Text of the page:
Integrating Public Health Concerns into Patent Legislation in Developing Countries
(2000; 140 pages) [French] [Spanish] View the PDF document
Table of Contents
View the documentTHE SOUTH CENTRE
View the documentFOREWORD
View the documentACKNOWLEDGEMENTS
View the documentGLOSSARY*
Open this folder and view contentsI. INTRODUCTION
Open this folder and view contentsII. PATENTABLE SUBJECT MATTER
Open this folder and view contentsIII. SCOPE OF CLAIMS
Open this folder and view contentsIV. PATENTABILITY REQUIREMENTS
Close this folderV. SPECIAL CASES IN PHARMACEUTICALS
View the documentV.1 Selection Patents
View the documentV.2 Prior Public Availability
View the documentV.3 Polymorphism
View the documentV.4 Analogy processes
View the documentV.5 Compositions
View the documentV.6 Optical Isomers
View the documentV.7 Active Metabolites
View the documentV.8 Prodrugs
Open this folder and view contentsVI. DISCLOSURE
Open this folder and view contentsVII. EXCEPTIONS TO EXCLUSIVE RIGHTS
Open this folder and view contentsVIII. EXAMINATION AND OBSERVATION PROCEDURES
Open this folder and view contentsIX. CLAIMS INTERPRETATION
Open this folder and view contentsX. COMPULSORY LICENSING
View the documentXI. FINAL REMARKS
View the documentREFERENCES
View the documentBACK COVER
 

V.4 Analogy processes

Some countries have permitted patenting of non-novel processes (sometimes called “analogy processes”) if the resulting chemical is novel and displays unexpected properties.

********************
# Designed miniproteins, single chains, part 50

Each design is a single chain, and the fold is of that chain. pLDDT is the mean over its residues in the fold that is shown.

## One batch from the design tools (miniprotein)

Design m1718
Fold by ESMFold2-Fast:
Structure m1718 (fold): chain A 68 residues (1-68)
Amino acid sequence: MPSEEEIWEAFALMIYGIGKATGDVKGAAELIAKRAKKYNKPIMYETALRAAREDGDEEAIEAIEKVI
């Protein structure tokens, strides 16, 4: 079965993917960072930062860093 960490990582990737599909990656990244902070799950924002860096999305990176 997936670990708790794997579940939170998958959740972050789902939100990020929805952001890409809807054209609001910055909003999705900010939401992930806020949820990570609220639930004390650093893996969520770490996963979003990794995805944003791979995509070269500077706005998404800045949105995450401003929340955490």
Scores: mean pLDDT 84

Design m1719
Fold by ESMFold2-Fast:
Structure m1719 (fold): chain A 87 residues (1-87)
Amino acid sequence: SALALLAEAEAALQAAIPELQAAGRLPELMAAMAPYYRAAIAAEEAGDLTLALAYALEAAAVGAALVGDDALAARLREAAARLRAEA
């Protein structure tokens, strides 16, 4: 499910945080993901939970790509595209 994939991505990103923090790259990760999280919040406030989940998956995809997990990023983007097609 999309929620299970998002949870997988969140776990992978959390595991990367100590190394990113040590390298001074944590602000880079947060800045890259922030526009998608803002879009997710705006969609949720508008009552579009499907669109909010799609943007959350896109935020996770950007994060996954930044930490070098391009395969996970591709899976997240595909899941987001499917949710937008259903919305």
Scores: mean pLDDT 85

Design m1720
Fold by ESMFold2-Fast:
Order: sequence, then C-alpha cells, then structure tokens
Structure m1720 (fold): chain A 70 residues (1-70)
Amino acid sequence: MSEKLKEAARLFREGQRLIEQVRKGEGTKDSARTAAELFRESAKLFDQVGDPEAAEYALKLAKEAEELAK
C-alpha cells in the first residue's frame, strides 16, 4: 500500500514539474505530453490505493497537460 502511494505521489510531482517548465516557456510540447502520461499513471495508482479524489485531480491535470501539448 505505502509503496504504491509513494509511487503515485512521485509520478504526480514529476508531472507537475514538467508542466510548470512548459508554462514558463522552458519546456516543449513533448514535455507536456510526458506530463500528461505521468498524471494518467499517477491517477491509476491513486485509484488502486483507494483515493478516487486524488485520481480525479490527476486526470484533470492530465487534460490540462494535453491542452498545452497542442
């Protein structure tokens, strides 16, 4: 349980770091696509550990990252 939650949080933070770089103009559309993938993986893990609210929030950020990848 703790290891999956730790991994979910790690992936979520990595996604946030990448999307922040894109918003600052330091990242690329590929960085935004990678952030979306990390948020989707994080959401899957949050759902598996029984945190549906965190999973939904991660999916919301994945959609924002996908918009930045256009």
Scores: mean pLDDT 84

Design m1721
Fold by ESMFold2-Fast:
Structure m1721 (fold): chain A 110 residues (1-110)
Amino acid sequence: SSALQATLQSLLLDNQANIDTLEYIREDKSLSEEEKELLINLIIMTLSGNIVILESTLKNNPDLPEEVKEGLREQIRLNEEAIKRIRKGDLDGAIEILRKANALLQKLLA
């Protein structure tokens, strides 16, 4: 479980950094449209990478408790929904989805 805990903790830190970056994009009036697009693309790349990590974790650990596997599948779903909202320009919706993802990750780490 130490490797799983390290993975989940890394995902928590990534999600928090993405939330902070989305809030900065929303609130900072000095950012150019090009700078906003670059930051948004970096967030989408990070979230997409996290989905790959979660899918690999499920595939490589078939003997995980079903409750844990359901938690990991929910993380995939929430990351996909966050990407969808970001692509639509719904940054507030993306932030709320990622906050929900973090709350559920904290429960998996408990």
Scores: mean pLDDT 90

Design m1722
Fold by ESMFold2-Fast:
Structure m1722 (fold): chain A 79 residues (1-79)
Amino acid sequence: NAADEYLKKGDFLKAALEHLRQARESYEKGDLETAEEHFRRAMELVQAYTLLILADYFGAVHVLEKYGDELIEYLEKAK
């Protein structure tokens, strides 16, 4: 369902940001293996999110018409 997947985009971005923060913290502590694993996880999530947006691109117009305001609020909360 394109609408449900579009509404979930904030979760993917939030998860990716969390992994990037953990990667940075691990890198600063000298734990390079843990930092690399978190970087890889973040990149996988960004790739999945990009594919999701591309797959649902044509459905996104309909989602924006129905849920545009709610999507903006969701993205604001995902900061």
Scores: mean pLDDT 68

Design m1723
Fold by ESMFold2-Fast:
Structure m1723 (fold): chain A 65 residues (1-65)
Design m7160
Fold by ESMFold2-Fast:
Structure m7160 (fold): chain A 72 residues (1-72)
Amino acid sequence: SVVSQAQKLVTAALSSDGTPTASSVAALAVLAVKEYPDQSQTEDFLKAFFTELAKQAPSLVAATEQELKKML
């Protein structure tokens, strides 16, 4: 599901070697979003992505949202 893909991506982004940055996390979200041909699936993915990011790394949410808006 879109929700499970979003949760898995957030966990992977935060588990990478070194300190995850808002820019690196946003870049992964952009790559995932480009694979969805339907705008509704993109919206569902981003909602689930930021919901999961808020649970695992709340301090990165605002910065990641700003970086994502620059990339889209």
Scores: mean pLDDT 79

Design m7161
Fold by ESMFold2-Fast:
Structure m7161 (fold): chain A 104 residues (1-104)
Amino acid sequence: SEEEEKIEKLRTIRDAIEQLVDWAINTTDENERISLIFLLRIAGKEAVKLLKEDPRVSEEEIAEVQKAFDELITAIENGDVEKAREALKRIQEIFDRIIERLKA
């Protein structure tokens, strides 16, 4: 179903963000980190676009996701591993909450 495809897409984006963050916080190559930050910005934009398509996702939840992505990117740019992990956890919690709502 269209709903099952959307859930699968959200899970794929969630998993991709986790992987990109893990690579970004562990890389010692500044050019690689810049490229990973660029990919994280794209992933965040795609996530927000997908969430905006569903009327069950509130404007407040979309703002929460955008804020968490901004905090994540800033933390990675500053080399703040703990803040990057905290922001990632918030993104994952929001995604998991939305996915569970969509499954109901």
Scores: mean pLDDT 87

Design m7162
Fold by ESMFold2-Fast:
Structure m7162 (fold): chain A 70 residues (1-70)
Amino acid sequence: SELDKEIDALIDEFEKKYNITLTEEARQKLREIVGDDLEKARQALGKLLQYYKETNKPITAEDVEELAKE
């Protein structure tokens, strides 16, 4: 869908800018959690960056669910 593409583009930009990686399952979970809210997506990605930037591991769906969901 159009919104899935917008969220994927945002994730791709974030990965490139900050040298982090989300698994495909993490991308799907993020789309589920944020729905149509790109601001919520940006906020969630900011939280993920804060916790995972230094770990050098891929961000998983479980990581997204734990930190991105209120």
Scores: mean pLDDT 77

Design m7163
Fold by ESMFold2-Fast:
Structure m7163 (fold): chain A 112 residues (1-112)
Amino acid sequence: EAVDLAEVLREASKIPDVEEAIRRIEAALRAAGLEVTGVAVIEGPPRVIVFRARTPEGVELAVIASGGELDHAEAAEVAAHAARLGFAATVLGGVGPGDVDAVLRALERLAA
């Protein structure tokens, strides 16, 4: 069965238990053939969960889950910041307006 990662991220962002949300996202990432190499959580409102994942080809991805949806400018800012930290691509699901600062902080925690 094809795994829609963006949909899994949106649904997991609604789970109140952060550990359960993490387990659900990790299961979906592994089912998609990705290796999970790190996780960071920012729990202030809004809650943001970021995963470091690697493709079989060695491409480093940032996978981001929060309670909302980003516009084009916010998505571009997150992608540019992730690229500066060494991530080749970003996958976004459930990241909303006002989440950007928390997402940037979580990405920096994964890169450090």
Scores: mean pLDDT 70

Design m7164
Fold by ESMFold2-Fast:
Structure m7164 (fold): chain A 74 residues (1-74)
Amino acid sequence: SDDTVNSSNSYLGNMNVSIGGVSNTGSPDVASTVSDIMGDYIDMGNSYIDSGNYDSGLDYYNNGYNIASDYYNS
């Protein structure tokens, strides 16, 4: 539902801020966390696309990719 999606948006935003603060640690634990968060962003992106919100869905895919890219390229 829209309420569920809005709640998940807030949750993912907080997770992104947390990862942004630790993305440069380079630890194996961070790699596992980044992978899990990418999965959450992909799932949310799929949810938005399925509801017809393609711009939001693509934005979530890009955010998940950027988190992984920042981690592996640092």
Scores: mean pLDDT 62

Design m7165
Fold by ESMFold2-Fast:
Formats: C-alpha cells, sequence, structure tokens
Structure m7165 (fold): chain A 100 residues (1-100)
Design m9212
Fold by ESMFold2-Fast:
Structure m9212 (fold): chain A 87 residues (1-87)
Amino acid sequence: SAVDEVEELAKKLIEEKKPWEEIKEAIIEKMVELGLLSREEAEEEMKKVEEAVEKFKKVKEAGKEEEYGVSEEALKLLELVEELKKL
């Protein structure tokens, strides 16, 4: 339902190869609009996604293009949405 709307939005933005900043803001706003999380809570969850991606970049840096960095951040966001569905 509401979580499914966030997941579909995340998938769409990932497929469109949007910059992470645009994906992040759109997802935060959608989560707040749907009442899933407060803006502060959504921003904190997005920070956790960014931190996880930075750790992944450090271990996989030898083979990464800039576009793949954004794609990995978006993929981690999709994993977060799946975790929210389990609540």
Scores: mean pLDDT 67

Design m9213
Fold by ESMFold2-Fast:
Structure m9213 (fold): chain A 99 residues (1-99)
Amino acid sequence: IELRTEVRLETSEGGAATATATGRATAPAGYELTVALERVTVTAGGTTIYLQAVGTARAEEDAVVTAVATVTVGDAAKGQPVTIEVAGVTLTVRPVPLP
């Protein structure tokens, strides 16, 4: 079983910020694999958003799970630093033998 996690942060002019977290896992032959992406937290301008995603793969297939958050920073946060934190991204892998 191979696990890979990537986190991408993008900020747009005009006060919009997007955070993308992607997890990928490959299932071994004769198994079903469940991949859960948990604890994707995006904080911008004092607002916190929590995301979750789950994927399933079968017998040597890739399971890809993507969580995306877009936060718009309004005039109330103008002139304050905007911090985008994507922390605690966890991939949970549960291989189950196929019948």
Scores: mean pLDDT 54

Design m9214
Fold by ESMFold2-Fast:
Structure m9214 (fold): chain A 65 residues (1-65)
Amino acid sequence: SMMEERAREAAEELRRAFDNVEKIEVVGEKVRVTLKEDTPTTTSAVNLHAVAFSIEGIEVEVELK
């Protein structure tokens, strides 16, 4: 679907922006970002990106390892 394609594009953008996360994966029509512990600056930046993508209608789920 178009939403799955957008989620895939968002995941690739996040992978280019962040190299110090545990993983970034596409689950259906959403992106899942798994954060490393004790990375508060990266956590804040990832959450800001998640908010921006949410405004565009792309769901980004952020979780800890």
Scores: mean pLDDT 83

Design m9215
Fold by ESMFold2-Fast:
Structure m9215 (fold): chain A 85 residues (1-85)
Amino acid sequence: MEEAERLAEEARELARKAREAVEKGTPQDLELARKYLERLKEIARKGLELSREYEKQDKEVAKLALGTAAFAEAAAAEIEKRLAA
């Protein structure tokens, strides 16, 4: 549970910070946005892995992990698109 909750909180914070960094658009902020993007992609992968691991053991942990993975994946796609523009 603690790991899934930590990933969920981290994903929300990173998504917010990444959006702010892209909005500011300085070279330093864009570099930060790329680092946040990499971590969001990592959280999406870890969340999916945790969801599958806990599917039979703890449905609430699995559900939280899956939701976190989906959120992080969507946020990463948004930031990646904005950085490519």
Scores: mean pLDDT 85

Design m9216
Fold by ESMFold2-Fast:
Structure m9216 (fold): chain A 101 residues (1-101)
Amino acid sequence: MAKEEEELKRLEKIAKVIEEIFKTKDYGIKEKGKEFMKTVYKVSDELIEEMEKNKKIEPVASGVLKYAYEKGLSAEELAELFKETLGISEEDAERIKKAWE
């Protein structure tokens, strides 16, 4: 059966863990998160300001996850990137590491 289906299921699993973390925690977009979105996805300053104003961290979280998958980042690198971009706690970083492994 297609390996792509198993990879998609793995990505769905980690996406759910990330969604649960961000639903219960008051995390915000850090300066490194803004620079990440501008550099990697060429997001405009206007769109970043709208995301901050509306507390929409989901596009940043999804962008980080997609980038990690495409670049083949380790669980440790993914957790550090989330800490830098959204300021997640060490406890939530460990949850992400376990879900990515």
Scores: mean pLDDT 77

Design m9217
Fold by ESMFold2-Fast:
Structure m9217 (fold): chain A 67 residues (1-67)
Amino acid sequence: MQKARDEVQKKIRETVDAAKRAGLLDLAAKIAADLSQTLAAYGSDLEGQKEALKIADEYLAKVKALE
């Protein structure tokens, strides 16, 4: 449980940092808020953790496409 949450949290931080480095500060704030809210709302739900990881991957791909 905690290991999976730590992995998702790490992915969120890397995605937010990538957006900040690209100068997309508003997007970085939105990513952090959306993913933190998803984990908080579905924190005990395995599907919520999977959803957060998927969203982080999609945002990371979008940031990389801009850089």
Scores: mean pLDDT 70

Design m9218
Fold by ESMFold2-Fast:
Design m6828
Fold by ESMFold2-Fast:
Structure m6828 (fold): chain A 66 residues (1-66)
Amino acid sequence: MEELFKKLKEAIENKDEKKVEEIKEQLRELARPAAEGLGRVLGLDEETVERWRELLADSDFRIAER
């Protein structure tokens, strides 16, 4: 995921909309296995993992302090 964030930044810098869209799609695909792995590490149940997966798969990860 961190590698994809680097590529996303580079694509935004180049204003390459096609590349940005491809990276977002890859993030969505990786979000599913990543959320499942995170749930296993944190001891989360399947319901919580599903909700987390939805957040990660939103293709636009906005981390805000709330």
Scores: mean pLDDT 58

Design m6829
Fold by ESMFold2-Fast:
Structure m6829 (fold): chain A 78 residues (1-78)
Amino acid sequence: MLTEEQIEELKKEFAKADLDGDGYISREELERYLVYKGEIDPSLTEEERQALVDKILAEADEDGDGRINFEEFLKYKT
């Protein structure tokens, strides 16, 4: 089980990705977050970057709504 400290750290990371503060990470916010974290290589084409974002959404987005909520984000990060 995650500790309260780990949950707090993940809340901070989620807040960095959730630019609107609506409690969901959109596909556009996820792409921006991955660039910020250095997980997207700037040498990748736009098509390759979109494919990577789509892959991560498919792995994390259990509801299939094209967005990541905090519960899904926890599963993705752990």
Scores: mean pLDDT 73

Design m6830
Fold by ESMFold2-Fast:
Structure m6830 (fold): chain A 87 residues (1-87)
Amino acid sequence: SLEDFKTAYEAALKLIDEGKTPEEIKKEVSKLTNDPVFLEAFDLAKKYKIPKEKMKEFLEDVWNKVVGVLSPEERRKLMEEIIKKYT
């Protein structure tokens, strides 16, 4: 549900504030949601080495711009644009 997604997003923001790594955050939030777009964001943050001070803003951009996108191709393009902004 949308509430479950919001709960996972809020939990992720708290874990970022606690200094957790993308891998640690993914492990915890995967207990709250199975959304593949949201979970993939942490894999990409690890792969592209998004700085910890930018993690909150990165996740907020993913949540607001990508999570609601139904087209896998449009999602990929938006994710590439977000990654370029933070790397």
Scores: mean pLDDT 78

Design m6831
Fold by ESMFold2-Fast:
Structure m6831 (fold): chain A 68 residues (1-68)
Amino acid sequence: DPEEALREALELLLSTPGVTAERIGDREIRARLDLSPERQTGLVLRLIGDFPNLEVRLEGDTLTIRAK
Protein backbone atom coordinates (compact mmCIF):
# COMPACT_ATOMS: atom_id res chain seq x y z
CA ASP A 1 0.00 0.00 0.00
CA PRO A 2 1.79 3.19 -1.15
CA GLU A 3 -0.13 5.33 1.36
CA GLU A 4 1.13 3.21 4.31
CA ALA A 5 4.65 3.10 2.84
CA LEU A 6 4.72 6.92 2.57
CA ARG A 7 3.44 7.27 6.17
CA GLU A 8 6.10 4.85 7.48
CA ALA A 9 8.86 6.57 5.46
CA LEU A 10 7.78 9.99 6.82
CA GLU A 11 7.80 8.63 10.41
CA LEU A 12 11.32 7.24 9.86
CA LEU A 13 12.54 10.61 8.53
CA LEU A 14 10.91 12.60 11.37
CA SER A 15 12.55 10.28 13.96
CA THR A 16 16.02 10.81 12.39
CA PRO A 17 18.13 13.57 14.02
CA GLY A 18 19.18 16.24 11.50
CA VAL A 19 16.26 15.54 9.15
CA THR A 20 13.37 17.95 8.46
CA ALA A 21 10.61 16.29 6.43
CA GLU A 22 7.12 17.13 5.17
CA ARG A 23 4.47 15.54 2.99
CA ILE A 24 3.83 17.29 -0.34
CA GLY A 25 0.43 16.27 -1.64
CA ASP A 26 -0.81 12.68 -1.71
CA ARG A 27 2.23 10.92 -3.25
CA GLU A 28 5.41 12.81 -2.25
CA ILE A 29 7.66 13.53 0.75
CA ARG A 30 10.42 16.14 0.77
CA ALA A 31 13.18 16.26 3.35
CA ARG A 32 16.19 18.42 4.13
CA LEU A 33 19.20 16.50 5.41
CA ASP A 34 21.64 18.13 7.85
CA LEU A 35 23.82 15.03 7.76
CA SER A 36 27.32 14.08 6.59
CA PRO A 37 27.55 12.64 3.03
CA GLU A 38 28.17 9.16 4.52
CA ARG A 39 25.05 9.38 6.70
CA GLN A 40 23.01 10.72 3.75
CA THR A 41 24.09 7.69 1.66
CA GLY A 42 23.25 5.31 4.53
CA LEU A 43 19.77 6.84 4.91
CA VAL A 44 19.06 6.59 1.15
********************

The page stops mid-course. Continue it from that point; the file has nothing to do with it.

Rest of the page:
The United States has held “analogy process” claims to be unpatentable unless they are inventive in themselves103, but has carved out an exception for biotechnology. The products and processes of biotechnology have posed hard problems for applying the inventive step standard, since many biotechnology “inventions” repeat previously invented processes in slightly different contexts. This problem led to a statutory amendment of U.S. law in 1995, which lowered the nonobviousness standard by deeming a biotech process claim nonobvious if it involves new and nonobvious starting materials or produces a new and nonobvious result104. While this solution, targeted only to biotechnology, may be deemed discriminatory - and hence inconsistent with article 27.1 of the TRIPs Agreement - it has been extended by case law to other fields of technology105.

103 See, e.g., Grubb, 1999, p. 206.

104 See, e.g., Dratler, §2.03[3].

105 See, e.g., Grubb, 1999, p. 207.

While the protection of “analogy processes” has been accepted in many jurisdictions as a logical means of protecting new developments, no country is obliged under the TRIPs Agreement to follow this approach of expanding the realm of patentable subject matter.

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